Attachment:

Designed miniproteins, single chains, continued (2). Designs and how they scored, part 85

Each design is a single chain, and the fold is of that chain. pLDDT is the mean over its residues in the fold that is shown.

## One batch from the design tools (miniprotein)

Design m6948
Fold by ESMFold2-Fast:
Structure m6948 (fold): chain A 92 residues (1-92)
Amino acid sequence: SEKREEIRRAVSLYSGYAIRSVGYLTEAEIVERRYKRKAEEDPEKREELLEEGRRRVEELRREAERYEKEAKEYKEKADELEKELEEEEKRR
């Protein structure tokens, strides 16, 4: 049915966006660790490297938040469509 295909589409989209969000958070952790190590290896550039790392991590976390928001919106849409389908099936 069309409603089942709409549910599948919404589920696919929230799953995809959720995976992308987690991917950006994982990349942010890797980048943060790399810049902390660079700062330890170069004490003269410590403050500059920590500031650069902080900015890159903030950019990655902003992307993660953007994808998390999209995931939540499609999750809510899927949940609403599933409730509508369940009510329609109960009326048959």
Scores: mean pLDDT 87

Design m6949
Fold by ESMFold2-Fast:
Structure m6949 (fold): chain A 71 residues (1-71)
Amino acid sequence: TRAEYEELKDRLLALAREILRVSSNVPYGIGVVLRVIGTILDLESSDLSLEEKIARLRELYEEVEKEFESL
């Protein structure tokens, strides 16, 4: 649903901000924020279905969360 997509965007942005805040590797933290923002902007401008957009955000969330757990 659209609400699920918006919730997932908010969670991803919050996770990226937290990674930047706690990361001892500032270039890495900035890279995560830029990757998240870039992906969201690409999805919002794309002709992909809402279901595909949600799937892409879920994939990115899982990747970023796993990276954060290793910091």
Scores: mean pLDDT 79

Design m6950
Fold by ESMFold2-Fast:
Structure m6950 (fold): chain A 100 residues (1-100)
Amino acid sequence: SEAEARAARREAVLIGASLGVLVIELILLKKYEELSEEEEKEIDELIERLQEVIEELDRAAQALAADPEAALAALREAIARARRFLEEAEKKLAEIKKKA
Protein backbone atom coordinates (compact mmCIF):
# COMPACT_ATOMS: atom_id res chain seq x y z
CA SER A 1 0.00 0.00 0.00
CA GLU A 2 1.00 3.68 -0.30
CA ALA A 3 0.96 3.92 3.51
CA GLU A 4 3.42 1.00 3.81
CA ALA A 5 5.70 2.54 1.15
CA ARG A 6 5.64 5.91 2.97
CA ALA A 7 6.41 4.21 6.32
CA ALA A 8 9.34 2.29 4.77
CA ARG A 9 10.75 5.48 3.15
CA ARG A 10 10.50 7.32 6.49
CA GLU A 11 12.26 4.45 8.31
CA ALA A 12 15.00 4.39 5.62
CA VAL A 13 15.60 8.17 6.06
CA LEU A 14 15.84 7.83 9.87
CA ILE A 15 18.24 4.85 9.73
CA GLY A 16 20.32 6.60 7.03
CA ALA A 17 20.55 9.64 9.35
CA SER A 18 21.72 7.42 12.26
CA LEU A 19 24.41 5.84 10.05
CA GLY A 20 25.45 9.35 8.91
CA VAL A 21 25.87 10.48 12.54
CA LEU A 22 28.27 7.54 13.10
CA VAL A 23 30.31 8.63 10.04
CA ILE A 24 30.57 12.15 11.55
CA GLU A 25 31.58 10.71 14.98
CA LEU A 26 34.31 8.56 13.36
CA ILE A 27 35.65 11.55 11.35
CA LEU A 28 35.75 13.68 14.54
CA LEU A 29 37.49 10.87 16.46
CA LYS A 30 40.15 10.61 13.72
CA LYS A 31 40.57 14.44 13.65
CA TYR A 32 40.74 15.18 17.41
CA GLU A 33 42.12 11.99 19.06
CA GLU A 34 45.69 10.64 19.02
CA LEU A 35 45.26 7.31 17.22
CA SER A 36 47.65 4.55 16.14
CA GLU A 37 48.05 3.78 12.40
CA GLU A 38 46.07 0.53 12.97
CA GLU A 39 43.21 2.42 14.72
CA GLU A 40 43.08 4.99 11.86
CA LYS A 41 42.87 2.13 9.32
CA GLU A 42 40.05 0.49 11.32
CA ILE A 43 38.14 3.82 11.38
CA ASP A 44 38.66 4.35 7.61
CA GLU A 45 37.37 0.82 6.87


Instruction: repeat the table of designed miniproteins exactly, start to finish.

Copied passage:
Designed miniproteins, single chains, continued (2). Designs and how they scored, part 85

Each design is a single chain, and the fold is of that chain. pLDDT is the mean over its residues in the fold that is shown.

## One batch from the design tools (miniprotein)

Design m6948
Fold by ESMFold2-Fast:
Structure m6948 (fold): chain A 92 residues (1-92)
Amino acid sequence: SEKREEIRRAVSLYSGYAIRSVGYLTEAEIVERRYKRKAEEDPEKREELLEEGRRRVEELRREAERYEKEAKEYKEKADELEKELEEEEKRR
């Protein structure tokens, strides 16, 4: 049915966006660790490297938040469509 295909589409989209969000958070952790190590290896550039790392991590976390928001919106849409389908099936 069309409603089942709409549910599948919404589920696919929230799953995809959720995976992308987690991917950006994982990349942010890797980048943060790399810049902390660079700062330890170069004490003269410590403050500059920590500031650069902080900015890159903030950019990655902003992307993660953007994808998390999209995931939540499609999750809510899927949940609403599933409730509508369940009510329609109960009326048959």
Scores: mean pLDDT 87

Design m6949
Fold by ESMFold2-Fast:
Structure m6949 (fold): chain A 71 residues (1-71)
Amino acid sequence: TRAEYEELKDRLLALAREILRVSSNVPYGIGVVLRVIGTILDLESSDLSLEEKIARLRELYEEVEKEFESL
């Protein structure tokens, strides 16, 4: 649903901000924020279905969360 997509965007942005805040590797933290923002902007401008957009955000969330757990 659209609400699920918006919730997932908010969670991803919050996770990226937290990674930047706690990361001892500032270039890495900035890279995560830029990757998240870039992906969201690409999805919002794309002709992909809402279901595909949600799937892409879920994939990115899982990747970023796993990276954060290793910091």
Scores: mean pLDDT 79

Design m6950
Fold by ESMFold2-Fast:
Structure m6950 (fold): chain A 100 residues (1-100)
Amino acid sequence: SEAEARAARREAVLIGASLGVLVIELILLKKYEELSEEEEKEIDELIERLQEVIEELDRAAQALAADPEAALAALREAIARARRFLEEAEKKLAEIKKKA
Protein backbone atom coordinates (compact mmCIF):
# COMPACT_ATOMS: atom_id res chain seq x y z
CA SER A 1 0.00 0.00 0.00
CA GLU A 2 1.00 3.68 -0.30
CA ALA A 3 0.96 3.92 3.51
CA GLU A 4 3.42 1.00 3.81
CA ALA A 5 5.70 2.54 1.15
CA ARG A 6 5.64 5.91 2.97
CA ALA A 7 6.41 4.21 6.32
CA ALA A 8 9.34 2.29 4.77
CA ARG A 9 10.75 5.48 3.15
CA ARG A 10 10.50 7.32 6.49
CA GLU A 11 12.26 4.45 8.31
CA ALA A 12 15.00 4.39 5.62
CA VAL A 13 15.60 8.17 6.06
CA LEU A 14 15.84 7.83 9.87
CA ILE A 15 18.24 4.85 9.73
CA GLY A 16 20.32 6.60 7.03
CA ALA A 17 20.55 9.64 9.35
CA SER A 18 21.72 7.42 12.26
CA LEU A 19 24.41 5.84 10.05
CA GLY A 20 25.45 9.35 8.91
CA VAL A 21 25.87 10.48 12.54
CA LEU A 22 28.27 7.54 13.10
CA VAL A 23 30.31 8.63 10.04
CA ILE A 24 30.57 12.15 11.55
CA GLU A 25 31.58 10.71 14.98
CA LEU A 26 34.31 8.56 13.36
CA ILE A 27 35.65 11.55 11.35
CA LEU A 28 35.75 13.68 14.54
CA LEU A 29 37.49 10.87 16.46
CA LYS A 30 40.15 10.61 13.72
CA LYS A 31 40.57 14.44 13.65
CA TYR A 32 40.74 15.18 17.41
CA GLU A 33 42.12 11.99 19.06
CA GLU A 34 45.69 10.64 19.02
CA LEU A 35 45.26 7.31 17.22
CA SER A 36 47.65 4.55 16.14
CA GLU A 37 48.05 3.78 12.40
CA GLU A 38 46.07 0.53 12.97
CA GLU A 39 43.21 2.42 14.72
CA GLU A 40 43.08 4.99 11.86
CA LYS A 41 42.87 2.13 9.32
CA GLU A 42 40.05 0.49 11.32
CA ILE A 43 38.14 3.82 11.38
CA ASP A 44 38.66 4.35 7.61
CA GLU A 45 37.37 0.82 6.87